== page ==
The elder uncle of Charles VI started perhaps, the greatest and most extravagant spending spree in the history of the world to that time. His collection itself was a work of art. Jean, Duc de Berry, was more intellectual than warrior, more a puller of strings than a weilder of battle-axes. Christine de Pisan, one of the first professional woman writers, describes him as handsome, amiable, wise in council, cautious in action, ” of sweet and kindly intercourse with no prideful hauteur, benignant in address and response, cheery in conversation, and in all things very considerate.”
But Christine, who loved by the favor of great patrons, could remark no evil in them. Others reported Duke John to be debauched, spendthrift, and little esteemed in the kingdom. Certainly, he outdid all his predecessors in the harshness of his tax collections. The people toiled and suffered to support art. This, he thought, was a good thing. Maybe it was, if art is greater than life.
At any rate, Sir John was a great builder, art patron and collector. He built seventeen important castles and other edifices, most of them now in ruins or in dust. He restored the castle of Poitiers, with its superb great hall, and supplied the central facade of the cathedral at Bourges. He had his own staff of jewelers and goldsmiths , and his own artists, some of whom, like Jacquemart de Hesdin and the Limbourg Brothers, are by no means forgotten. He appointed the painter Andre Beauneveu his commissioner for the arts; he also had a purchasing agent in Italy, one of the first art dealers. Duke John, wearing his hat adorned with sapphires, emeralds, rubies, and pearls, was himself an art object, a dazzlement, a chef-d’oeuvre in his own collection.
Duke John possessed a mountain of gems; diamonds, rubies, pearls, jaspers, garnets, amethysts, rock crystals, cat’s-eyes, toadstones, corals, and nore than fifteen hundred cameos and intaglios. He liked to break down crude bijouterie and have the stones reassembled according to his own designs. Thus he made suitable reliquaries for a piece of Saint Lawrence’s grill, a twig from the Burning Bush, the leg of a Holy Innocent, the head of one of the Eleven Thousand Virgins. He made shrines for the Virgin’s wedding ring, for a wine cuip used in the marriage at Cana, for a scrap from the mantle of Elijah.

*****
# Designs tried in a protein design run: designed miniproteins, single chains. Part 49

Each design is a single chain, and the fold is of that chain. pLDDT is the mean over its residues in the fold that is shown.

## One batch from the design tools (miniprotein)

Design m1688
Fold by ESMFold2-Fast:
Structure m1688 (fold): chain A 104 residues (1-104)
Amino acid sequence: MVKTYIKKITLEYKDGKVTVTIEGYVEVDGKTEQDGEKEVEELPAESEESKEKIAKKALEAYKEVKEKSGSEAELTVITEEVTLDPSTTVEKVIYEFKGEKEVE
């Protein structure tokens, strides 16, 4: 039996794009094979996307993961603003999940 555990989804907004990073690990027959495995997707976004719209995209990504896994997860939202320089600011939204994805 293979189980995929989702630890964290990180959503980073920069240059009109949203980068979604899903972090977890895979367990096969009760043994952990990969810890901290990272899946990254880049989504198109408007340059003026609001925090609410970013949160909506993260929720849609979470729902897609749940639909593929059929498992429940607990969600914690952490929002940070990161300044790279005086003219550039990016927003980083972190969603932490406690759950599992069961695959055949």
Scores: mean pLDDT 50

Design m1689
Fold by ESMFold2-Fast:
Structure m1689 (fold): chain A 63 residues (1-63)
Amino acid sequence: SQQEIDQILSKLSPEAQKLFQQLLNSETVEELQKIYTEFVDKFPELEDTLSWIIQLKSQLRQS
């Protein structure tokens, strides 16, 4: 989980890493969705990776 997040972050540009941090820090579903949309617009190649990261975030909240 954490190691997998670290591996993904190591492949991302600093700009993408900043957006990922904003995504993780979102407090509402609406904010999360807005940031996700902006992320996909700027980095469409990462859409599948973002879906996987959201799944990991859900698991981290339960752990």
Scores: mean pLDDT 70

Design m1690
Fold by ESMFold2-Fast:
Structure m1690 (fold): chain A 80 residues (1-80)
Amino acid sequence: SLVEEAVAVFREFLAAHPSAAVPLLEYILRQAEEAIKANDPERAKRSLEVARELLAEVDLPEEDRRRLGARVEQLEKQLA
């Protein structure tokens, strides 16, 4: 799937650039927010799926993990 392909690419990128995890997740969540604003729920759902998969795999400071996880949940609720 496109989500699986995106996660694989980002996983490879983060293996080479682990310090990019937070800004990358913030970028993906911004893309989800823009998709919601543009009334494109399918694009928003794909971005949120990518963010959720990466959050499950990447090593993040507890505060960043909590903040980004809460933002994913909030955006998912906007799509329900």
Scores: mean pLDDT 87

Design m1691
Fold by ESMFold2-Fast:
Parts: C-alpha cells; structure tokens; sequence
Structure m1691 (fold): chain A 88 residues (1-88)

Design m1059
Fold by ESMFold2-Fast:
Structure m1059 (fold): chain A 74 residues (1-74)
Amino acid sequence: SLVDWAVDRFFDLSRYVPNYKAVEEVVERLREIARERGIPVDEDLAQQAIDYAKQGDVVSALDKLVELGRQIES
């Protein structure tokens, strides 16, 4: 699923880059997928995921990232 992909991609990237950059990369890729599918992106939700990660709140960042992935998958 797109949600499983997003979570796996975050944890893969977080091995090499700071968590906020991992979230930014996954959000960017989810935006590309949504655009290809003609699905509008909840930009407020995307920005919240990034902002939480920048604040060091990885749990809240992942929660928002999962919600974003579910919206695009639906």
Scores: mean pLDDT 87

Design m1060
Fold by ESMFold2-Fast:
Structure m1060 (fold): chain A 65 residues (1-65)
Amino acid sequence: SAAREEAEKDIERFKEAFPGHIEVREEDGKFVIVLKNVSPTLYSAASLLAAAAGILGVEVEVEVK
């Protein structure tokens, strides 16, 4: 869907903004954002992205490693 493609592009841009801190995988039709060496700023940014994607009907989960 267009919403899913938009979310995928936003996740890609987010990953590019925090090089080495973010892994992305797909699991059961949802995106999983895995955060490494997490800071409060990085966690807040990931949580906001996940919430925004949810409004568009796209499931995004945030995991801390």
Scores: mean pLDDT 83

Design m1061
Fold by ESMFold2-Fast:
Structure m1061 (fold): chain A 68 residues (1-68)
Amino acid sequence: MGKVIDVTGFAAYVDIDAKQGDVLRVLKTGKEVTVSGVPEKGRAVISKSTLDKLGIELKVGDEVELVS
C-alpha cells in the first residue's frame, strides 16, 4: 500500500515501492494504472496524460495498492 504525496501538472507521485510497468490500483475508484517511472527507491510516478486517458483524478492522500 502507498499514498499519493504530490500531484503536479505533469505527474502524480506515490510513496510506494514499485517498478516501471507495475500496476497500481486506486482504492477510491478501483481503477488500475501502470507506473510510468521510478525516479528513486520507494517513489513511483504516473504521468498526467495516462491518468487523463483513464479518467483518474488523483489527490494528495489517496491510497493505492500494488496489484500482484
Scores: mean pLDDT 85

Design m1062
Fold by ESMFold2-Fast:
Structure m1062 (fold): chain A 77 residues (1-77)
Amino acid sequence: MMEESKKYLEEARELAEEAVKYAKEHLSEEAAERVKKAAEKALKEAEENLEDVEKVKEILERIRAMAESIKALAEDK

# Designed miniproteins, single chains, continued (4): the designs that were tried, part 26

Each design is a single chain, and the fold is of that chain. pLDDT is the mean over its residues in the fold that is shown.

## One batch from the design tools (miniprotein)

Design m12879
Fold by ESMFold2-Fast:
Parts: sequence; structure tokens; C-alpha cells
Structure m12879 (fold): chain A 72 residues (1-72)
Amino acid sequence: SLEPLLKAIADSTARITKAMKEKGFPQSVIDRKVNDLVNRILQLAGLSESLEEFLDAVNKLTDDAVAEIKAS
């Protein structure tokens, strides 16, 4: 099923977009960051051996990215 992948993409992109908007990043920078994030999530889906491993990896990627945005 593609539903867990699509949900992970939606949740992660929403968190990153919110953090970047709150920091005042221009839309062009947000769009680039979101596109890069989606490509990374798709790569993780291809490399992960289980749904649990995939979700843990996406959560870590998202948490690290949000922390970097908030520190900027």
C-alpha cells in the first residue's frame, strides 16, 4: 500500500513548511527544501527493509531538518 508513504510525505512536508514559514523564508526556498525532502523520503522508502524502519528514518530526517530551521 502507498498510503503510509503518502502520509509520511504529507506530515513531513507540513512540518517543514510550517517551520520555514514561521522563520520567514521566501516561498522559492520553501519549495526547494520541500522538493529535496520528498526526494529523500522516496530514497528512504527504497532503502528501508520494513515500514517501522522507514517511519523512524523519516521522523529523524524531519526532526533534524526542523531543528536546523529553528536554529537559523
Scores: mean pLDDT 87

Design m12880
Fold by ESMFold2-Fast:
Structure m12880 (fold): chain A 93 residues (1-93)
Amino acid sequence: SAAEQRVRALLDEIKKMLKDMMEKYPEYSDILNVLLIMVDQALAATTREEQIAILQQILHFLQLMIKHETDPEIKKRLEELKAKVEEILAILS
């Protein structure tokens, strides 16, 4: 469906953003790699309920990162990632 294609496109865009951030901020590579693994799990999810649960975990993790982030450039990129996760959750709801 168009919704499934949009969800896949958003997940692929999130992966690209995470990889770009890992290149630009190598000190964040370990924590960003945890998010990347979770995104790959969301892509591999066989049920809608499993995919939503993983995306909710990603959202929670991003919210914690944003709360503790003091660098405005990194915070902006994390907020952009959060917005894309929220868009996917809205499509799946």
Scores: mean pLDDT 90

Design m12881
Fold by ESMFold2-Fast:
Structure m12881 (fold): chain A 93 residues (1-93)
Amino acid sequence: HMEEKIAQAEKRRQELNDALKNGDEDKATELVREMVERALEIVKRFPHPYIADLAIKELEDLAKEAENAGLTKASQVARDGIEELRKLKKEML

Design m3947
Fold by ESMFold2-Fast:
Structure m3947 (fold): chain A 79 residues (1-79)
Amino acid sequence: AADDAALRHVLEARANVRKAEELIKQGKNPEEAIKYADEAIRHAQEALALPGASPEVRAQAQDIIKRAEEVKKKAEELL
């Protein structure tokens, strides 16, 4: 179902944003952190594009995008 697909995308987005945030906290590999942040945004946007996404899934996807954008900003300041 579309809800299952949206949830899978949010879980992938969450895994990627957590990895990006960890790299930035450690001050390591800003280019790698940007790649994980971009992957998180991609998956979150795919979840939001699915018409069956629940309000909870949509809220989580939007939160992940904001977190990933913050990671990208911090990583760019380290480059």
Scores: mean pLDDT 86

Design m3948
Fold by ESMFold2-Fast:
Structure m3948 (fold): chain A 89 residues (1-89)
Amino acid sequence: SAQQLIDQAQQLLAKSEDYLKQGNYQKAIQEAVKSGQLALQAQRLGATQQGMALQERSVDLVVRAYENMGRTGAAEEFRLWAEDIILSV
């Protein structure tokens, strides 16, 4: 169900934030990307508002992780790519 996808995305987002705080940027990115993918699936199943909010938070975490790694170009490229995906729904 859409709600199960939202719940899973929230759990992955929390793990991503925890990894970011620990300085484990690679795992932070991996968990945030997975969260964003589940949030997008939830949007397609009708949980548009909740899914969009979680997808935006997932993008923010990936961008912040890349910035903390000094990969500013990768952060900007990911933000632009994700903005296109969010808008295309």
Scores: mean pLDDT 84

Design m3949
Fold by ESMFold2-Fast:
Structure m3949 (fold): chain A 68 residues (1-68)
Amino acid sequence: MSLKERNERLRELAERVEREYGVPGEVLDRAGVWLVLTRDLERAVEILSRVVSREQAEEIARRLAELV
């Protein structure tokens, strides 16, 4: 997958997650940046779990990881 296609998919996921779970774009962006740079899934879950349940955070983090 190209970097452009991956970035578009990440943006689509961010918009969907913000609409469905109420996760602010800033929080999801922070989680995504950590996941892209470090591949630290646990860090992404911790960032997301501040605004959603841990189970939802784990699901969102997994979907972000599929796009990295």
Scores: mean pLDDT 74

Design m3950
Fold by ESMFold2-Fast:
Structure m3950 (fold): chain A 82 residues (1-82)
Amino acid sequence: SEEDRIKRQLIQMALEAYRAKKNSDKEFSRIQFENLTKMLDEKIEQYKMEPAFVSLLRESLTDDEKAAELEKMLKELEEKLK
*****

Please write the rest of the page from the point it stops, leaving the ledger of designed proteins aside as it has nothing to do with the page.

In Italy, Duke John’s agent bought Greek vases, sculptures, medals of Augustus and Tiberius, ancient coins. In his passion for collecting he would collect almost anything; tapestries from Arras, embroideries from FLorence and England, leather hangings from Spain, a ”Wunderkammer” of natural curiosities: a snake’s jaws, a porcupine’s quill, an elephant’s molar. He even collected dogs; he is said to have possessed fifteen hundred, mostly, no doubt, in hunting packs at his country castle’s. But the banquet scene is his ”Tres Riches Heures” shows a dog on the floor and two puppies on the very table.
His chief passion was for books, which in his day, were of course, in manuscript. His library numbered about three hundred volumes, fewer than his brother Charles had owned, but chose with more discrimination. Duke John loved the beauty and personality of books; he loved also to read their words. He was especially fond of romances of chivalry. At one time he ordered some low-standing ivory candlesticks ”to hold candles for reading romances.” A real bibliophile, he carried a precious Book of Hours to war with him. Confronting in the field of battle the English commander, the Duke of Bedford, another connoisseur, he arranged to postpone the engagement while Bedford visited him in his tent to inspect the treasure.
Under the patronage of Jean de Berry the art of book illustration found a new development. The decoration of books was originally an ecclesiastical art, practiced by monks for the glory of God. By the thirteenth century book illustration and ornamentation became in some part a secular trade , in the hands of professionals in Paris and Italy.
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